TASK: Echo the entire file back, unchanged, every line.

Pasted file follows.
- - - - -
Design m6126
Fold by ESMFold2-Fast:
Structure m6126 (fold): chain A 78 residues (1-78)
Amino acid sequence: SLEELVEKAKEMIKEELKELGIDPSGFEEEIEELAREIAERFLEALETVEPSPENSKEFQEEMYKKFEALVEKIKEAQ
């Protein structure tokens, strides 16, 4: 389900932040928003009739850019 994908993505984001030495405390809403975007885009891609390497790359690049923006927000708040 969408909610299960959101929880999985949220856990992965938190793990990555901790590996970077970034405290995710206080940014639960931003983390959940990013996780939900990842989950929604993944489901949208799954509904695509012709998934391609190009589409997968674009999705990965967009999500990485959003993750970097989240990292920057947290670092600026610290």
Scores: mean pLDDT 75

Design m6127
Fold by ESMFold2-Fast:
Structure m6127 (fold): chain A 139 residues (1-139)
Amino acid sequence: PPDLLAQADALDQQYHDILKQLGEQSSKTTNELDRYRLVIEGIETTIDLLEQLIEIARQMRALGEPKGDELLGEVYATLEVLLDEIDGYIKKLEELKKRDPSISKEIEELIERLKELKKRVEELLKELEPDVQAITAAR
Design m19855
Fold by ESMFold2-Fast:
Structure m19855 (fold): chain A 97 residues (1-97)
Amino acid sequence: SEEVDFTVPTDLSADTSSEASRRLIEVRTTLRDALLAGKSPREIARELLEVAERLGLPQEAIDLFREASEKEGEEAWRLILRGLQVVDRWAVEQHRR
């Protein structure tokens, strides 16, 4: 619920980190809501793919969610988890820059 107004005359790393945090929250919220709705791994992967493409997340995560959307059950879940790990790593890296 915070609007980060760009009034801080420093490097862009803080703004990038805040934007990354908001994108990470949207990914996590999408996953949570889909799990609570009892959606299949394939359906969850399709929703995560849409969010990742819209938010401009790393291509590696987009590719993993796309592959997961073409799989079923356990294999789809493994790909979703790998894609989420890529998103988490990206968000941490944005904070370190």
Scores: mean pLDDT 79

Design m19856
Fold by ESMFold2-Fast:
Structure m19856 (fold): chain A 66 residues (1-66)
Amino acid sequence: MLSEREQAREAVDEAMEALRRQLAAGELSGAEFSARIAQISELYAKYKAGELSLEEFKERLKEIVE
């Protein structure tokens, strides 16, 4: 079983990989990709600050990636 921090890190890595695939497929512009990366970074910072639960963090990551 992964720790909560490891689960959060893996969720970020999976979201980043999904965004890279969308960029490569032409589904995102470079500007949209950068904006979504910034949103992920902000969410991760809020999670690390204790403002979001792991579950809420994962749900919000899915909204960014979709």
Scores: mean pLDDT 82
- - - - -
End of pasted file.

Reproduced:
Design m6126
Fold by ESMFold2-Fast:
Structure m6126 (fold): chain A 78 residues (1-78)
Amino acid sequence: SLEELVEKAKEMIKEELKELGIDPSGFEEEIEELAREIAERFLEALETVEPSPENSKEFQEEMYKKFEALVEKIKEAQ
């Protein structure tokens, strides 16, 4: 389900932040928003009739850019 994908993505984001030495405390809403975007885009891609390497790359690049923006927000708040 969408909610299960959101929880999985949220856990992965938190793990990555901790590996970077970034405290995710206080940014639960931003983390959940990013996780939900990842989950929604993944489901949208799954509904695509012709998934391609190009589409997968674009999705990965967009999500990485959003993750970097989240990292920057947290670092600026610290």
Scores: mean pLDDT 75

Design m6127
Fold by ESMFold2-Fast:
Structure m6127 (fold): chain A 139 residues (1-139)
Amino acid sequence: PPDLLAQADALDQQYHDILKQLGEQSSKTTNELDRYRLVIEGIETTIDLLEQLIEIARQMRALGEPKGDELLGEVYATLEVLLDEIDGYIKKLEELKKRDPSISKEIEELIERLKELKKRVEELLKELEPDVQAITAAR
Design m19855
Fold by ESMFold2-Fast:
Structure m19855 (fold): chain A 97 residues (1-97)
Amino acid sequence: SEEVDFTVPTDLSADTSSEASRRLIEVRTTLRDALLAGKSPREIARELLEVAERLGLPQEAIDLFREASEKEGEEAWRLILRGLQVVDRWAVEQHRR
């Protein structure tokens, strides 16, 4: 619920980190809501793919969610988890820059 107004005359790393945090929250919220709705791994992967493409997340995560959307059950879940790990790593890296 915070609007980060760009009034801080420093490097862009803080703004990038805040934007990354908001994108990470949207990914996590999408996953949570889909799990609570009892959606299949394939359906969850399709929703995560849409969010990742819209938010401009790393291509590696987009590719993993796309592959997961073409799989079923356990294999789809493994790909979703790998894609989420890529998103988490990206968000941490944005904070370190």
Scores: mean pLDDT 79

Design m19856
Fold by ESMFold2-Fast:
Structure m19856 (fold): chain A 66 residues (1-66)
Amino acid sequence: MLSEREQAREAVDEAMEALRRQLAAGELSGAEFSARIAQISELYAKYKAGELSLEEFKERLKEIVE
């Protein structure tokens, strides 16, 4: 079983990989990709600050990636 921090890190890595695939497929512009990366970074910072639960963090990551 992964720790909560490891689960959060893996969720970020999976979201980043999904965004890279969308960029490569032409589904995102470079500007949209950068904006979504910034949103992920902000969410991760809020999670690390204790403002979001792991579950809420994962749900919000899915909204960014979709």
Scores: mean pLDDT 82